We tend to think of these issues as modern problems, but I suspect they’ve always been there. The good thing is that by and large we are more open and honest about the complexity of role and gender than we were in the past. What it means to be male and female, or transgender, are openly discussed, but can be unsettling for many. You, like me, probably know many boys who do not fit into the conventional frame of what it means to be masculine. And probably just as many girls who don’t conform to the feminine stereotype. The selection of Brett Kavanaugh for the Supreme Court in the USA, and the subsequent scrutiny, highlighted in a very graphic way issues of male power and entitlement as well as the very real concerns raised by the ‘Me Too’ movement.

My reading of the life of Jesus Christ is that he was quick to forgive and slow to condemn. He had a ministry of blessing. That doesn’t mean that we should bless everything, however wacky, in the name of the Church. There are sometimes real and very difficult ethical issues. But it does mean that we have a bias towards generosity and compassionate love. Jesus treated people as individuals and sought to listen and love before he rushed to judgment. We should do the same.


Harvest Sunday 2018

Harvest Sunday at St Mary’s Church, Kirtlington.
















Fellowship of St Birinus 2018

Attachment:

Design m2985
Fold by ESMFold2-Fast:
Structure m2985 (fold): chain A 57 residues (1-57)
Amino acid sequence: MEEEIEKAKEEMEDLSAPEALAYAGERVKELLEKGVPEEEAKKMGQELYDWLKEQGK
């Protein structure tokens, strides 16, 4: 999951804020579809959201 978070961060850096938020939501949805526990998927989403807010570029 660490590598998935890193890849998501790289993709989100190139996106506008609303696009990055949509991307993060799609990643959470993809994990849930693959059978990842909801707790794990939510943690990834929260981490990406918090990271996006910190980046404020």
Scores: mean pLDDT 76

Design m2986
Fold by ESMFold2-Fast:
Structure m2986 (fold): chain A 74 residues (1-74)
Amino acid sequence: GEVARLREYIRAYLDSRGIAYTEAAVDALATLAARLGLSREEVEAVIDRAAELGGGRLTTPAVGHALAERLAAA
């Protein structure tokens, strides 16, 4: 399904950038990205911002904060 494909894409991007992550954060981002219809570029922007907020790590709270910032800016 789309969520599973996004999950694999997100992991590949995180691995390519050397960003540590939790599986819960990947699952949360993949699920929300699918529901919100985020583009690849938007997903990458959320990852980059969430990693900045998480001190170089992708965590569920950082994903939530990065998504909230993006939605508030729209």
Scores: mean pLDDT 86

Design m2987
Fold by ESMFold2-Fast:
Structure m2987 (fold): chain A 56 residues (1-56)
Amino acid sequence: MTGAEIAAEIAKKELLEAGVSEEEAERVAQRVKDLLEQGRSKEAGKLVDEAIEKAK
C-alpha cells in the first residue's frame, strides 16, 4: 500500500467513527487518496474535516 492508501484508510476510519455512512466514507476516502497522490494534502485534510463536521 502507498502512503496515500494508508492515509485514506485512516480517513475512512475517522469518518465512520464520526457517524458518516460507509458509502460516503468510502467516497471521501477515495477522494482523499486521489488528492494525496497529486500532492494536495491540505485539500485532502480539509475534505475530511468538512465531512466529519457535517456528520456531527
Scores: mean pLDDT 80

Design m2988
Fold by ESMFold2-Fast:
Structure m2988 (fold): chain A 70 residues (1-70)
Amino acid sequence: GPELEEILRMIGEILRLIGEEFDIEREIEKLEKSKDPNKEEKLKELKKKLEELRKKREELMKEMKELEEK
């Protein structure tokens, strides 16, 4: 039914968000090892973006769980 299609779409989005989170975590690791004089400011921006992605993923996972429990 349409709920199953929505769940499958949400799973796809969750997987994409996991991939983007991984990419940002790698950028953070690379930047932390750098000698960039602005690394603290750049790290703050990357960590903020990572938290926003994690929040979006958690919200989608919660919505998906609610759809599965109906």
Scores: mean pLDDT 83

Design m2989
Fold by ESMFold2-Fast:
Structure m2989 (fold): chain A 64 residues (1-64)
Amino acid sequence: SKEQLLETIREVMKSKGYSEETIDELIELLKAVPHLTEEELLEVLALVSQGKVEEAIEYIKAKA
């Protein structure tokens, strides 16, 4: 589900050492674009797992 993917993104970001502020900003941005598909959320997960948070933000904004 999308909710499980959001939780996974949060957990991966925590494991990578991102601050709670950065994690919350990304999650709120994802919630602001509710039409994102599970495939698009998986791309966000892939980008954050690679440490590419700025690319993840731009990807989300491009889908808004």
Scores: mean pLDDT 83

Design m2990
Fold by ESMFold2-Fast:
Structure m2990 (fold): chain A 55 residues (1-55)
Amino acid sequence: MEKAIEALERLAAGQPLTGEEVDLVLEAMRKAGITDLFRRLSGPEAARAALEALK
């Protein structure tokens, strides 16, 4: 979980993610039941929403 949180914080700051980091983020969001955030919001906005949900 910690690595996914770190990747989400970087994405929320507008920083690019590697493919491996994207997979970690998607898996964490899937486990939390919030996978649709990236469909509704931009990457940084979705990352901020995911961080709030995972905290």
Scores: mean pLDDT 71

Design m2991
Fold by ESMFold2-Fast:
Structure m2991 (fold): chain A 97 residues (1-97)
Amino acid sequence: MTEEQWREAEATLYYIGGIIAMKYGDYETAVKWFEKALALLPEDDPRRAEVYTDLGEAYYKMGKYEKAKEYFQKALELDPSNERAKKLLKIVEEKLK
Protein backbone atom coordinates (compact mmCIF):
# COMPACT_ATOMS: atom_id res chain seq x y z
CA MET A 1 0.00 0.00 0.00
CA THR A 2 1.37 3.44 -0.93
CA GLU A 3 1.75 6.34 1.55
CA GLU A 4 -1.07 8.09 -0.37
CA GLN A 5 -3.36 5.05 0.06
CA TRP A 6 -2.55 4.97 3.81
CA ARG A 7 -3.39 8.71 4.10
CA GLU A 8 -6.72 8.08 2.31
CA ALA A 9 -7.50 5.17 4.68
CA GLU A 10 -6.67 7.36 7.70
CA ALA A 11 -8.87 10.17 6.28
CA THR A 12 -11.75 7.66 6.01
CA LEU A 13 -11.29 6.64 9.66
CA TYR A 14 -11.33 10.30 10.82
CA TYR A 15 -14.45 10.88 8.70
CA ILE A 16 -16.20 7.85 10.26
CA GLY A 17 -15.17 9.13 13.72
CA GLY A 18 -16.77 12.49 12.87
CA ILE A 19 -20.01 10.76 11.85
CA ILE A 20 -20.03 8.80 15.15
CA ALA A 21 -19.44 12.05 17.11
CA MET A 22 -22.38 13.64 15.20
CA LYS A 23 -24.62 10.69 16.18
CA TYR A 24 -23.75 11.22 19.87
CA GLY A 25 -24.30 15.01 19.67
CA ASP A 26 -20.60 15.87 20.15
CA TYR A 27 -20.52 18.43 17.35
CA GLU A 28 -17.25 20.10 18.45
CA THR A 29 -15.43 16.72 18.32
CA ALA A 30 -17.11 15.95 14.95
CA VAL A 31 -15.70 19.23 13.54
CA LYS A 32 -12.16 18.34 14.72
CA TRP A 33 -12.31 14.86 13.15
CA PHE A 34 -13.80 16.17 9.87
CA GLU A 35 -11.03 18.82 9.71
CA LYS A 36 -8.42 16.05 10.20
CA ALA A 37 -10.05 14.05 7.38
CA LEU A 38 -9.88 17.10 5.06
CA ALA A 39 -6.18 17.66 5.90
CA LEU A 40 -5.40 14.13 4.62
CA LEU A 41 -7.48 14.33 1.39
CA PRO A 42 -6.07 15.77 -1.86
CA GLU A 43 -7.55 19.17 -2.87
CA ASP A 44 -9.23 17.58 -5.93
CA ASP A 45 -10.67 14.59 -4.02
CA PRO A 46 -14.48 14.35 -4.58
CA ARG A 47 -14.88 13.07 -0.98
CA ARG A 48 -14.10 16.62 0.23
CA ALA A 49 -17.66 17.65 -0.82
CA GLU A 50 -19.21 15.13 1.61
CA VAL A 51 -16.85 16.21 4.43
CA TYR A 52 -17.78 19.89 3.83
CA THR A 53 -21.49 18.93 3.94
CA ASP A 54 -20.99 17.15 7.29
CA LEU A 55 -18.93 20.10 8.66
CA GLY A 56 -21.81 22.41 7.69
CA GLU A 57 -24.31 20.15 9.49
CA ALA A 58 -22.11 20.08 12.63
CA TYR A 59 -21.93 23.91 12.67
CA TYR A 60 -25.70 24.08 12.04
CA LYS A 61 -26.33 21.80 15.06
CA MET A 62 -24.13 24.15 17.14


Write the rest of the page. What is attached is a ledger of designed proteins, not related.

Several members of our villages churches were recently admitted into the Fellowship of St Birinus by The Bishop of Dorchester.

This is awarded for long and dedicated service. The new members are Bob Hessian, Pam Miller and Bill Tootell (Weston), Jenny Miller (Wendlebury), Hilary Wallbank (Chesterton), Brian Waterhouse and Ann Mowat (Kirtlington).

They are shown here with other members of the fellowship from our benefice.
The award is also given to Greta Bickley (Bletchingdon) who was unable to be present at the service, and post-humously to Tony Bagnall Smith.

The Rev’d Gareth Miller

From The Rev’d Brian Wood – Sept. 2018

Brian Wood

When does Autumn start- has it already? Has ‘summer’ ended?- at least this year we can feel we have had some summer. According to the Met Office the ‘meteorological autumn’ runs September  1st to the end of  November.  The equinox (equal day and night lengths- 12 hours each) occurs September 22nd/ 23rd– a date significant to astronomers, and astrologers too. What about ‘quarter days’?- Lady Day, Midsummer, Michaelmas (29 September), Christmas Day. What about Harvest?